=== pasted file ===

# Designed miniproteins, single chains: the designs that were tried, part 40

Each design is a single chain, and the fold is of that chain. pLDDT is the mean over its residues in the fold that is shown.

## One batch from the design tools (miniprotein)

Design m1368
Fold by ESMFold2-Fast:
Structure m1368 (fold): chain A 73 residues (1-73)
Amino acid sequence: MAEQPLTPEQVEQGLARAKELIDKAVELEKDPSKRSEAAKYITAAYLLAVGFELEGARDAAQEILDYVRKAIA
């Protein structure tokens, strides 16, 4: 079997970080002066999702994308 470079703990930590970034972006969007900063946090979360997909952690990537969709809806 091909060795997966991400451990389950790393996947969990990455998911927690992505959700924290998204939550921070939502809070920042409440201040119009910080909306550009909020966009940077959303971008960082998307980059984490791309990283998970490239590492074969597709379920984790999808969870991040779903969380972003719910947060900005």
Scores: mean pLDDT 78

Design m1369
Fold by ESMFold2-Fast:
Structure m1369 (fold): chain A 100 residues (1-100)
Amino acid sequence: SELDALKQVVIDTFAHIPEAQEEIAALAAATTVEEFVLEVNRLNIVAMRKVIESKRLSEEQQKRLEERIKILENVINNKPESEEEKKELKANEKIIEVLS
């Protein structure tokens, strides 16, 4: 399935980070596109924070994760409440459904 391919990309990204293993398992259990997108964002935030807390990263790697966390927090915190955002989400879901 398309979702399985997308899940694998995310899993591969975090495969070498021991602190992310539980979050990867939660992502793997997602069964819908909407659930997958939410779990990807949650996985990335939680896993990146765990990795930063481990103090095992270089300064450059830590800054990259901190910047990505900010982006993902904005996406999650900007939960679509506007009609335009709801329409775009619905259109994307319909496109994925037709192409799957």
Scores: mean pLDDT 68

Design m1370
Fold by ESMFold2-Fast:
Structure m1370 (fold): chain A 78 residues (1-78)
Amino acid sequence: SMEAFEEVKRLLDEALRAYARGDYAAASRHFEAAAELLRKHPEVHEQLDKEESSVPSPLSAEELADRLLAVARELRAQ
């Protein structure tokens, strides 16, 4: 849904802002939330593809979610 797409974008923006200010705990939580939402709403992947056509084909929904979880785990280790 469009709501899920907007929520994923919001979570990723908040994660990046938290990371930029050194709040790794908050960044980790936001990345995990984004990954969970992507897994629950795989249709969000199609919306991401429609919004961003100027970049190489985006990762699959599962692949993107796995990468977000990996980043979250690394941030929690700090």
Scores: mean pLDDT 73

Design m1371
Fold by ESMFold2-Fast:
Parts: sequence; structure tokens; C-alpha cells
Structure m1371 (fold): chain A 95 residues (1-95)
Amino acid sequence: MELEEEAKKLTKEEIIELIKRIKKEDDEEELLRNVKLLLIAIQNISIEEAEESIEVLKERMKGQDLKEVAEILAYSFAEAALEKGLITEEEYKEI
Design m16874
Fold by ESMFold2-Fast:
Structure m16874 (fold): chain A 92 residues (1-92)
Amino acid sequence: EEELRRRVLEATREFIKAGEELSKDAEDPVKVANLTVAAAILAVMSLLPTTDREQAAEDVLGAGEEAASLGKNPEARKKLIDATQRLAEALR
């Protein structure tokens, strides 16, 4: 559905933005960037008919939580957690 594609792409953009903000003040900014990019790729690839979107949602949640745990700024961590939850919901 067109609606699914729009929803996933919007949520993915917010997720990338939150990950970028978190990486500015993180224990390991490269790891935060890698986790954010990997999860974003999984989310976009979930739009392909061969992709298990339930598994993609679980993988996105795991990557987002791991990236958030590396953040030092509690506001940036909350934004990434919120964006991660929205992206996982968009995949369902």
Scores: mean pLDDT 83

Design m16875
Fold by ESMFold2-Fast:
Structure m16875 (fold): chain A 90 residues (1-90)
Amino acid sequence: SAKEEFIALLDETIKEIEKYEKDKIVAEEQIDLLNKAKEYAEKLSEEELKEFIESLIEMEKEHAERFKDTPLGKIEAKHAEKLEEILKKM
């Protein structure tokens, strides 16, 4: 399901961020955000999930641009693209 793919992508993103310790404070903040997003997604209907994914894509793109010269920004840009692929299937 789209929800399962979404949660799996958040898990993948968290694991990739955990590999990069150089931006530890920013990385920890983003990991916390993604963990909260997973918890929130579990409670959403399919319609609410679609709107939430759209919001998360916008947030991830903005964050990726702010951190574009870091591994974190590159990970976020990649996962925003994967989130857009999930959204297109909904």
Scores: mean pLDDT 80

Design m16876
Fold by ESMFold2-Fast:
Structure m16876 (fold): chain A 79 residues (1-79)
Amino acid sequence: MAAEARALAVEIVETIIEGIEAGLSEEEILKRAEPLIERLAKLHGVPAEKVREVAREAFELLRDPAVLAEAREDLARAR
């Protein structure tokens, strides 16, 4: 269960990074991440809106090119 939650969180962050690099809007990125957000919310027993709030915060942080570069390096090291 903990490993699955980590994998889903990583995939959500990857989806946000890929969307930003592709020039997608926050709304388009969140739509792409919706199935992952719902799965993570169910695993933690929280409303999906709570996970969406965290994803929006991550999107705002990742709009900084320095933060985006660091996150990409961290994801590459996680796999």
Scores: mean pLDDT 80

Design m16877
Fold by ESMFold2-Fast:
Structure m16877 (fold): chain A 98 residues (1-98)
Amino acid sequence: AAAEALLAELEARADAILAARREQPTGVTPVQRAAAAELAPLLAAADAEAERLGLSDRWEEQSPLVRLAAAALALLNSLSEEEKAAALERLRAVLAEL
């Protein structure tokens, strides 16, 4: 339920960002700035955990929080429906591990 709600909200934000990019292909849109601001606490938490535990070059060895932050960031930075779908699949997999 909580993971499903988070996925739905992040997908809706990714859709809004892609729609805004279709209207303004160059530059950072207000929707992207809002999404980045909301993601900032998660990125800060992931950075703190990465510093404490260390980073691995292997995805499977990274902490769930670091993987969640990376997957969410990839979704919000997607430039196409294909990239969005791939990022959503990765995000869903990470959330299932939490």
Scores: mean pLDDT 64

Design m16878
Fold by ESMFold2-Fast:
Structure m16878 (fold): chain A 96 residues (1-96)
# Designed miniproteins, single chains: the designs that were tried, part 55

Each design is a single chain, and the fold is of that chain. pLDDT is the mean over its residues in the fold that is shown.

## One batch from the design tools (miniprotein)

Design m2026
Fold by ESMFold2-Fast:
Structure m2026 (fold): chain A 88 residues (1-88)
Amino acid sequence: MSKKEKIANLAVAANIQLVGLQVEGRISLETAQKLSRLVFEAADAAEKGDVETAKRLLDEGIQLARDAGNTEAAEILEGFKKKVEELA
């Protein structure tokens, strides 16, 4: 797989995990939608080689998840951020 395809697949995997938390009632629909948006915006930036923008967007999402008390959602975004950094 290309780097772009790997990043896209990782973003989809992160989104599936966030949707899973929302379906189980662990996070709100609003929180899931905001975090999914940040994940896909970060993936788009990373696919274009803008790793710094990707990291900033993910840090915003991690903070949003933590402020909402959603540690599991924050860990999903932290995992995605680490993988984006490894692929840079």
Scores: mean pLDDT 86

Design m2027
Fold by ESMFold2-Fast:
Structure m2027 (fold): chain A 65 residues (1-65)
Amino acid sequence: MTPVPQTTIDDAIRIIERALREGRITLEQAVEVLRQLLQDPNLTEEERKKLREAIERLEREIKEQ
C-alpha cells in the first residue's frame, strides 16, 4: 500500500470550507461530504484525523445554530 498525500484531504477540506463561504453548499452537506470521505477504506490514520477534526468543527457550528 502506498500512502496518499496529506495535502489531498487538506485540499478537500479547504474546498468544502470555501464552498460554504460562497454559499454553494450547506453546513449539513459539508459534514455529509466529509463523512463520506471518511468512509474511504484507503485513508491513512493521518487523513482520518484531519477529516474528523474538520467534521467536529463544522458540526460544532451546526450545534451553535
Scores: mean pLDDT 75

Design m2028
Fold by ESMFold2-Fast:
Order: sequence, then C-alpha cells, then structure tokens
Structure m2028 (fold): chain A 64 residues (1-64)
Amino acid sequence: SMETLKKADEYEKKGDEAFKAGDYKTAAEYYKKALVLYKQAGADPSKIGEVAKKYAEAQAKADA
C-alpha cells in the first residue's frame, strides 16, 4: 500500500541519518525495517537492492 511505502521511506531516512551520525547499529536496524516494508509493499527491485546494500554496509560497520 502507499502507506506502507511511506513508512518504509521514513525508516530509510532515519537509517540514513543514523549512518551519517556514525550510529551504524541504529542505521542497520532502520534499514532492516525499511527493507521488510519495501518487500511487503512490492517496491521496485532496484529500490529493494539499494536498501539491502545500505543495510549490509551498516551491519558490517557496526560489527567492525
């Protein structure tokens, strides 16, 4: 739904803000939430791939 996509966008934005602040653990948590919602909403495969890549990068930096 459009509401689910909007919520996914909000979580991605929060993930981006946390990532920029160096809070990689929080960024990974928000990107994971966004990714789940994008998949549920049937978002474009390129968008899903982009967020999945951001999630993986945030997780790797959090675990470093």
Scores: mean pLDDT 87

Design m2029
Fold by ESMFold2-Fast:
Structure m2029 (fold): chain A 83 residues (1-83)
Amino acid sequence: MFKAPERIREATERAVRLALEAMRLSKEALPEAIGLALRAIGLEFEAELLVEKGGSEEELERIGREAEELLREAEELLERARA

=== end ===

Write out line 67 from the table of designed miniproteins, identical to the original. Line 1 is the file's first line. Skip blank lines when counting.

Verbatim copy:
C-alpha cells in the first residue's frame, strides 16, 4: 500500500470550507461530504484525523445554530 498525500484531504477540506463561504453548499452537506470521505477504506490514520477534526468543527457550528 502506498500512502496518499496529506495535502489531498487538506485540499478537500479547504474546498468544502470555501464552498460554504460562497454559499454553494450547506453546513449539513459539508459534514455529509466529509463523512463520506471518511468512509474511504484507503485513508491513512493521518487523513482520518484531519477529516474528523474538520467534521467536529463544522458540526460544532451546526450545534451553535